• General or fabric face coverings – made from a range of different fabrics, these also stop the spread of large droplets, protecting others from Covid-19 if the wearer has it – more on this below. These are the type the public is being told to wear.

You can find out more about these types of coverings in our article on filter vs medical vs fabric face masks

You can buy disposable face masks on the Disability Horizons Shop, along with other Covid essentials, including plastic gloves and extra-thick aprons.

Disposable surgical face mask

Face masks rules

Last year, the rules on when you must wear a face mask changed repeatedly. They have also been at odds depending on where in the UK you live – England, Scotland, Northern Ireland or Wales.

On 27th November 2021, the Government announced that face masks were mandatory again in some public places across the UK following the new Omicron variant. On the 10th December, the list of places was expanded.

Broadly speaking, throughout the UK, face masks have to be worn by customers and staff in many public indoor places (aside from hospitality), particularly if they are crowded and enclosed, and where you may come into contact with people you do not normally meet.

More specifically, face masks must be worn in the following places, with examples for each area:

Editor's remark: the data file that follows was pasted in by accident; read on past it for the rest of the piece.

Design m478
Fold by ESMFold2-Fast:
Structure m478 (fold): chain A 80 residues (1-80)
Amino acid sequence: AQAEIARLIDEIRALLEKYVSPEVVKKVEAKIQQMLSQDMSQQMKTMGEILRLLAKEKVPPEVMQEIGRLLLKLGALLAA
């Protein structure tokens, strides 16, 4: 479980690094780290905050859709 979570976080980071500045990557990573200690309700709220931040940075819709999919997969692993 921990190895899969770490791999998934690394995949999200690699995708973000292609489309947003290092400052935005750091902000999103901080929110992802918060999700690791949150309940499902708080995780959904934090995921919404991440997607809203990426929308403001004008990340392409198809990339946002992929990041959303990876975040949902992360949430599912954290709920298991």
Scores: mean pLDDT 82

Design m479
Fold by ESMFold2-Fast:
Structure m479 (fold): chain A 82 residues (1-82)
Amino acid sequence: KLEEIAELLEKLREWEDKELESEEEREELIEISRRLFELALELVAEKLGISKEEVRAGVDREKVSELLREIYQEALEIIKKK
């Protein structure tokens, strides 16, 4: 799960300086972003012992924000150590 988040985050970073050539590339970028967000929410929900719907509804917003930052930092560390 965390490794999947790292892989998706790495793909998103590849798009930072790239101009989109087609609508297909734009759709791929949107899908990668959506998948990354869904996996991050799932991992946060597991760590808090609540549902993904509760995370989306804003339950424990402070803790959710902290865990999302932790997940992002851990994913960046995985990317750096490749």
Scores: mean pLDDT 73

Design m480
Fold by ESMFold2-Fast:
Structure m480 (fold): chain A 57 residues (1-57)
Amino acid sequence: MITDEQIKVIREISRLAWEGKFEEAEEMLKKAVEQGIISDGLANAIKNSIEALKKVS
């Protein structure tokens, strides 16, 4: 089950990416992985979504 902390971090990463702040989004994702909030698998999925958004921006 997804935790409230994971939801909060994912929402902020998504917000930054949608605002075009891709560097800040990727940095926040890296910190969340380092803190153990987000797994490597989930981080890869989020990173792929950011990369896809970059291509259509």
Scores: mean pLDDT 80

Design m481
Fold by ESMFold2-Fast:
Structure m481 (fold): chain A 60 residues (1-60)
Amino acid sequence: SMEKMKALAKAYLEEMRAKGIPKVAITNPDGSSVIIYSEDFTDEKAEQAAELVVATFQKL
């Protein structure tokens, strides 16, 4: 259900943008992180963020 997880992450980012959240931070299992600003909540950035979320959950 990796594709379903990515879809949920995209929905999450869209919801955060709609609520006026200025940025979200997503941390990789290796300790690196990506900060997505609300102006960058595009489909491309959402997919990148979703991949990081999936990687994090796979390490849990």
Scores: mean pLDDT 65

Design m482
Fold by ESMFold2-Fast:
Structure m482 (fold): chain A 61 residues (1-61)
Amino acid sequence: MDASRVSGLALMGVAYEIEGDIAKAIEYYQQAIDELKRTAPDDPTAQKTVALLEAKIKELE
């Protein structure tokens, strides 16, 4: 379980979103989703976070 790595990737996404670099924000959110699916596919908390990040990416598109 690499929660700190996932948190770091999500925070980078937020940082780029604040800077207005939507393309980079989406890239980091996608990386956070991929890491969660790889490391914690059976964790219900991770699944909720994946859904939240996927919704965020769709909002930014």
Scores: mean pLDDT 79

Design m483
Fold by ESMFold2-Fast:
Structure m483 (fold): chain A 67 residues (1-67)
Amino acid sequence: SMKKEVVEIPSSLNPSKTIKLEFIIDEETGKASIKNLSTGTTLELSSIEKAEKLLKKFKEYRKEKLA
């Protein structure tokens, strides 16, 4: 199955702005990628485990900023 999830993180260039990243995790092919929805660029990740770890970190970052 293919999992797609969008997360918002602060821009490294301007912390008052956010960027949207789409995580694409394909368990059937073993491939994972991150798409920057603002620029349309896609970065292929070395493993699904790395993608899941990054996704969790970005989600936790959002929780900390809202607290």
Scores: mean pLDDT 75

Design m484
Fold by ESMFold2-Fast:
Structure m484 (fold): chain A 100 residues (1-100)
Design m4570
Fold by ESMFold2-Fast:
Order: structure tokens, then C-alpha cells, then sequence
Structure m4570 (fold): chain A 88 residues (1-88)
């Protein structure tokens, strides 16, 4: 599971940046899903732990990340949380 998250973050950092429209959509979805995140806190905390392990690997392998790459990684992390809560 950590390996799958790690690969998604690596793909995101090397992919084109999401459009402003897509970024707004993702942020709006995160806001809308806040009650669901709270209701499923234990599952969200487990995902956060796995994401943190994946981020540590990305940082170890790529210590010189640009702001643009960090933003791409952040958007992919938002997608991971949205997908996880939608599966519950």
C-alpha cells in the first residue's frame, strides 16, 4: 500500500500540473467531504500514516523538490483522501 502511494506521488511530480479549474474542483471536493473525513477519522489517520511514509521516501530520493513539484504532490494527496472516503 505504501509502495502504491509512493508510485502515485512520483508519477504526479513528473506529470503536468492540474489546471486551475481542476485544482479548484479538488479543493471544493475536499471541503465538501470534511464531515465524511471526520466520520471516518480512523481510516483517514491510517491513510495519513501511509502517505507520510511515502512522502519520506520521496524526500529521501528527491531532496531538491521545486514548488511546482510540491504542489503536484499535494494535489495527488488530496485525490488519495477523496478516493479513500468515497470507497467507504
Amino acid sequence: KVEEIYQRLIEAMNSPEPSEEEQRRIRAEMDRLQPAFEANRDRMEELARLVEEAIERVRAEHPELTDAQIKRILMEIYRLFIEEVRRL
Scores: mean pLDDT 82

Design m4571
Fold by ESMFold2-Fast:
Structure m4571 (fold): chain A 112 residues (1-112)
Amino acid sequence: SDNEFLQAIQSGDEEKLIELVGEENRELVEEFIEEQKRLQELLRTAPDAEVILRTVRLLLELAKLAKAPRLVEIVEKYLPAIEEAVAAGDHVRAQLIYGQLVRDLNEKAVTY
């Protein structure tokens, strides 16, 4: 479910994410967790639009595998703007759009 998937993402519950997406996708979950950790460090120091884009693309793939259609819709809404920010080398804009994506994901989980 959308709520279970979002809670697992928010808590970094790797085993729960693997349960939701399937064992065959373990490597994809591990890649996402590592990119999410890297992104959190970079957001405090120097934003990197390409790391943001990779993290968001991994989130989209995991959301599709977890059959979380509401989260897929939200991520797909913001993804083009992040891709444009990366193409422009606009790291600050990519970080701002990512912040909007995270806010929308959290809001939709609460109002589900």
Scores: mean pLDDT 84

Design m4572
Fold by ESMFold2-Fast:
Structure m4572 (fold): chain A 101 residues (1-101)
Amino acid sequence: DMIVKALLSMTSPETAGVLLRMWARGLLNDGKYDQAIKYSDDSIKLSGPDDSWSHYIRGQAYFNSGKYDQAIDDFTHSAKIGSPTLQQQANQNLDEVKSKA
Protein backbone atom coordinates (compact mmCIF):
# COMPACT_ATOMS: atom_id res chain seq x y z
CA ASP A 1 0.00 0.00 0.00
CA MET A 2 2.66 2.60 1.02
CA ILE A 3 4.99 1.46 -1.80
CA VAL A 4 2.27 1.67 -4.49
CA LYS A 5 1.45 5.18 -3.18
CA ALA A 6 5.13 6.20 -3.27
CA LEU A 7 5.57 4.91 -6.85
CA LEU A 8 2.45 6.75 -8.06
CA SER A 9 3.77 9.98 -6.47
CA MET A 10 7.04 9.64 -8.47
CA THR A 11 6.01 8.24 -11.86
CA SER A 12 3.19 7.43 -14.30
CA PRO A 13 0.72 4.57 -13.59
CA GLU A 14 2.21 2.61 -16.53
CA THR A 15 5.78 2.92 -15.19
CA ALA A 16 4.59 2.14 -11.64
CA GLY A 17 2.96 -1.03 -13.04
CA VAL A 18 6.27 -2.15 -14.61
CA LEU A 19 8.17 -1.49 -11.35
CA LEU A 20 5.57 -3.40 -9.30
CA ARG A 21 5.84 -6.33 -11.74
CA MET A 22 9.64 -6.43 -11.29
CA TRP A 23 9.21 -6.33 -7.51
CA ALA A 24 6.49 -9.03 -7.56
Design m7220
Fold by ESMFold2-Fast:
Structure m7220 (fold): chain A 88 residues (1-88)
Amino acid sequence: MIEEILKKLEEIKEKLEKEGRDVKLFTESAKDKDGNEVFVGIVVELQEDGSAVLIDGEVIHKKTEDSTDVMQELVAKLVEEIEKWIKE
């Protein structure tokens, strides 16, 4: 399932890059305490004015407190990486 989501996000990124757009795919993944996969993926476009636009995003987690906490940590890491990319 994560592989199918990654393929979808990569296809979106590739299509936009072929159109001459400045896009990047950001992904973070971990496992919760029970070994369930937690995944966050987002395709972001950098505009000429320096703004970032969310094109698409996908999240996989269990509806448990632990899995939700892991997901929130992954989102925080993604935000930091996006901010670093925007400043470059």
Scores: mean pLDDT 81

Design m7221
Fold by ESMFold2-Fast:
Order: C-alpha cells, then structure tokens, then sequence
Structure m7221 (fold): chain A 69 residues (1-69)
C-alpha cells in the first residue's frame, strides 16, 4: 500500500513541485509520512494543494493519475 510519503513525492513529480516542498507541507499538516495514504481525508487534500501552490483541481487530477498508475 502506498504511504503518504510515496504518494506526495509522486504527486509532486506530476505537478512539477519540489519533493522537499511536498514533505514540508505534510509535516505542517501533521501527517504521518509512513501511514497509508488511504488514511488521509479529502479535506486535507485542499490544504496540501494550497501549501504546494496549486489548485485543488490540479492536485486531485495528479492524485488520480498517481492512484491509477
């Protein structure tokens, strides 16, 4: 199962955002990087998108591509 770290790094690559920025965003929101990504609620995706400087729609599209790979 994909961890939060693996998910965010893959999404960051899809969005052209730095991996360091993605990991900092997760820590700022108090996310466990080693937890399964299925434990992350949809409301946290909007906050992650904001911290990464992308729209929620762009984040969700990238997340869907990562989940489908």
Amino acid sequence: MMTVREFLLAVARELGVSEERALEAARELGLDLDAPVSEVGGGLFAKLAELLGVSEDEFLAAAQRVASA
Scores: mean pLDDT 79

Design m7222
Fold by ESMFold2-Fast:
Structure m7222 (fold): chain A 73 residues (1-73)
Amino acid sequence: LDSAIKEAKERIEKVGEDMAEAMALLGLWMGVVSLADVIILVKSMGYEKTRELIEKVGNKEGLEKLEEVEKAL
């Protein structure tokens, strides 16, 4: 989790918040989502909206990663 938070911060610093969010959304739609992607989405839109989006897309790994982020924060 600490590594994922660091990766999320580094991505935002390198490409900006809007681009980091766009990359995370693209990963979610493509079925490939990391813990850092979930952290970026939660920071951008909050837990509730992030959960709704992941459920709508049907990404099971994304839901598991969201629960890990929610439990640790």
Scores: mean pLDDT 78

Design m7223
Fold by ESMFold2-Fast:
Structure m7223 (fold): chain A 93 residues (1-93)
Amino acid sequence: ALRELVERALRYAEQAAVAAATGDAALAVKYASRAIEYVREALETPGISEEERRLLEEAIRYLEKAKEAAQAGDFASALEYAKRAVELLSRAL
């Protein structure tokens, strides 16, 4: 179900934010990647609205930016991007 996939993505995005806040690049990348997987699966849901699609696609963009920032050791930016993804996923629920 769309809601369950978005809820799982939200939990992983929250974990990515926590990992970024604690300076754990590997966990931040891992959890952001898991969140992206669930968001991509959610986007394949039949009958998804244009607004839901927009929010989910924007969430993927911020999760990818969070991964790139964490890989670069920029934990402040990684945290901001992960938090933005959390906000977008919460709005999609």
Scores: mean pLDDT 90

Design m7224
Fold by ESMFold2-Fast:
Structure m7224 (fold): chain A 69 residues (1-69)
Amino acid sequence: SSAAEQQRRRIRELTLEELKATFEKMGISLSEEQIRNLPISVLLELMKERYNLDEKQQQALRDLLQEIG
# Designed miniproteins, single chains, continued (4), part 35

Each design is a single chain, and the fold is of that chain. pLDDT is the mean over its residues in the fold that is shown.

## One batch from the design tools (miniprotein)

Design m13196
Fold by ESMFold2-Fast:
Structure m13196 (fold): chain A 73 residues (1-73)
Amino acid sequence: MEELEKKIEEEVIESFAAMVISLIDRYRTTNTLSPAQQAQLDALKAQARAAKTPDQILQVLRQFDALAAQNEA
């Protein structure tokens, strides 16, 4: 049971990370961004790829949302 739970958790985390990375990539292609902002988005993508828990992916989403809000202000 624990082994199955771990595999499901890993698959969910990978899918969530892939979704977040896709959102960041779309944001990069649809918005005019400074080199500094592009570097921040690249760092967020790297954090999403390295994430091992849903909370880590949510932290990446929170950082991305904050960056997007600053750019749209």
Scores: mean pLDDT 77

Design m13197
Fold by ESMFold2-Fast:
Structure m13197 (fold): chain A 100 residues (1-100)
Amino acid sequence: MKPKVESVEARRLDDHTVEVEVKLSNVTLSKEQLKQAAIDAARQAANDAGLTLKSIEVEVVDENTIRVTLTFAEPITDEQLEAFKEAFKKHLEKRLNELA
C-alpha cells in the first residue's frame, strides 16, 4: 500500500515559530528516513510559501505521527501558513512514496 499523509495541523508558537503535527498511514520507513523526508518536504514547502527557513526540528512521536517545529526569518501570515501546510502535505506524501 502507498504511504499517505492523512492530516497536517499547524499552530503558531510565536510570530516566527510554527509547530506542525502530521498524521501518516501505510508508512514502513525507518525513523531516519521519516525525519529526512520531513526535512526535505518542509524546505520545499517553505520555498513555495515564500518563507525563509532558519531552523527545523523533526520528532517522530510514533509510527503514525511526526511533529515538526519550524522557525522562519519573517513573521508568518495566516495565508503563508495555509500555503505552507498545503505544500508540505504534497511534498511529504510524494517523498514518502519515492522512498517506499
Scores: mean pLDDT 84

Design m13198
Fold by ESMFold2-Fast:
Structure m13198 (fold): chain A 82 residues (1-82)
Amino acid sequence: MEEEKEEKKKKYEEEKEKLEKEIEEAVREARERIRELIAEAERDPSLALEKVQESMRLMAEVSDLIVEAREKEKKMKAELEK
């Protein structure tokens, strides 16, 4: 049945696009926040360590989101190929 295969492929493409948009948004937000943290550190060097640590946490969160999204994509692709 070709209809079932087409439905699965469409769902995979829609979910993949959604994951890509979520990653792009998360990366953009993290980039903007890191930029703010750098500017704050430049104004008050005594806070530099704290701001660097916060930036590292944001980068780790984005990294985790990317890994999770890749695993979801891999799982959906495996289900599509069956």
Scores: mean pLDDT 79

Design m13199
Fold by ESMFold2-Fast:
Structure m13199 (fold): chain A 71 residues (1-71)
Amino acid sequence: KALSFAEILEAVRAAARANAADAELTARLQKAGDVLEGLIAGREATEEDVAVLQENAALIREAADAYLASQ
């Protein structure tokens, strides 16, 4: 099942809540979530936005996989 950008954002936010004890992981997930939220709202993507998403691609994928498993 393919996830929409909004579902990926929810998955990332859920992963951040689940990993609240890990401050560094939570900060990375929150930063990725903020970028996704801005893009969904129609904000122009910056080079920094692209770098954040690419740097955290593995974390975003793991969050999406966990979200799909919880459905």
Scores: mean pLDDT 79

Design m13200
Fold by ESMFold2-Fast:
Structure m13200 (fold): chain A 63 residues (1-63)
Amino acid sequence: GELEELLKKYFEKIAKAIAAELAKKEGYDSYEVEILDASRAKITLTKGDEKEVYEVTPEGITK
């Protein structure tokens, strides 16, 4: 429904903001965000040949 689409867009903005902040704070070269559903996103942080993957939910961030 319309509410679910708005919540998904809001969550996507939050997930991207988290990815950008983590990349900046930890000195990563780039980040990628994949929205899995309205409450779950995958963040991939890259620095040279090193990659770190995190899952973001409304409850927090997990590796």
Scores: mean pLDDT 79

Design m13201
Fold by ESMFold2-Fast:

• shops and supermarkets – places that offer goods or services for retail sale or hire. This includes shops within other premises, such as visitor attractions, for examples gift shops or museums.
  • shopping centres – malls and indoor markets – and retail galleries
  • places providing legal or financial services – post offices, banks, building societies, high-street solicitors and accountants, credit unions, short-term loan providers, savings clubs and money service businesses
  • places offering personal care and beauty treatments – hair salons, barbers, nail salons, massage centres, tattoo and piercing parlours
  • visitor attractions and entertainment venues, such as museums, galleries, cinemas, indoor theatres, concert halls, cultural and heritage sites, indoor areas at aquariums, zoos and visitor farms, bingo halls, amusement arcades, adventure activity centres, indoor sports stadiums, funfairs, indoor theme parks, casinos, skating rinks, bowling alleys and indoor play areas (including soft-play areas)
  • public transport (aeroplanes, trains, trams, buses, coaches and ferries), taxis and private hire vehicles
  • transport hubs – airports, rail and tram stations and terminals, maritime ports and terminals, bus and coach stations and terminals
  • takeaways places without space for the consumption of food or drink on the premises
  • any car or small van during a professionally delivered driving lesson, a practical driving test, or during one of the practical tests for giving driving instruction, and in all HGV lessons and tests
  • driving test theory centres
  • community centres (including village halls), youth centres, member and social clubs
  • polling stations and premises used for the counting of votes
  • indoor areas of open-air sports stadiums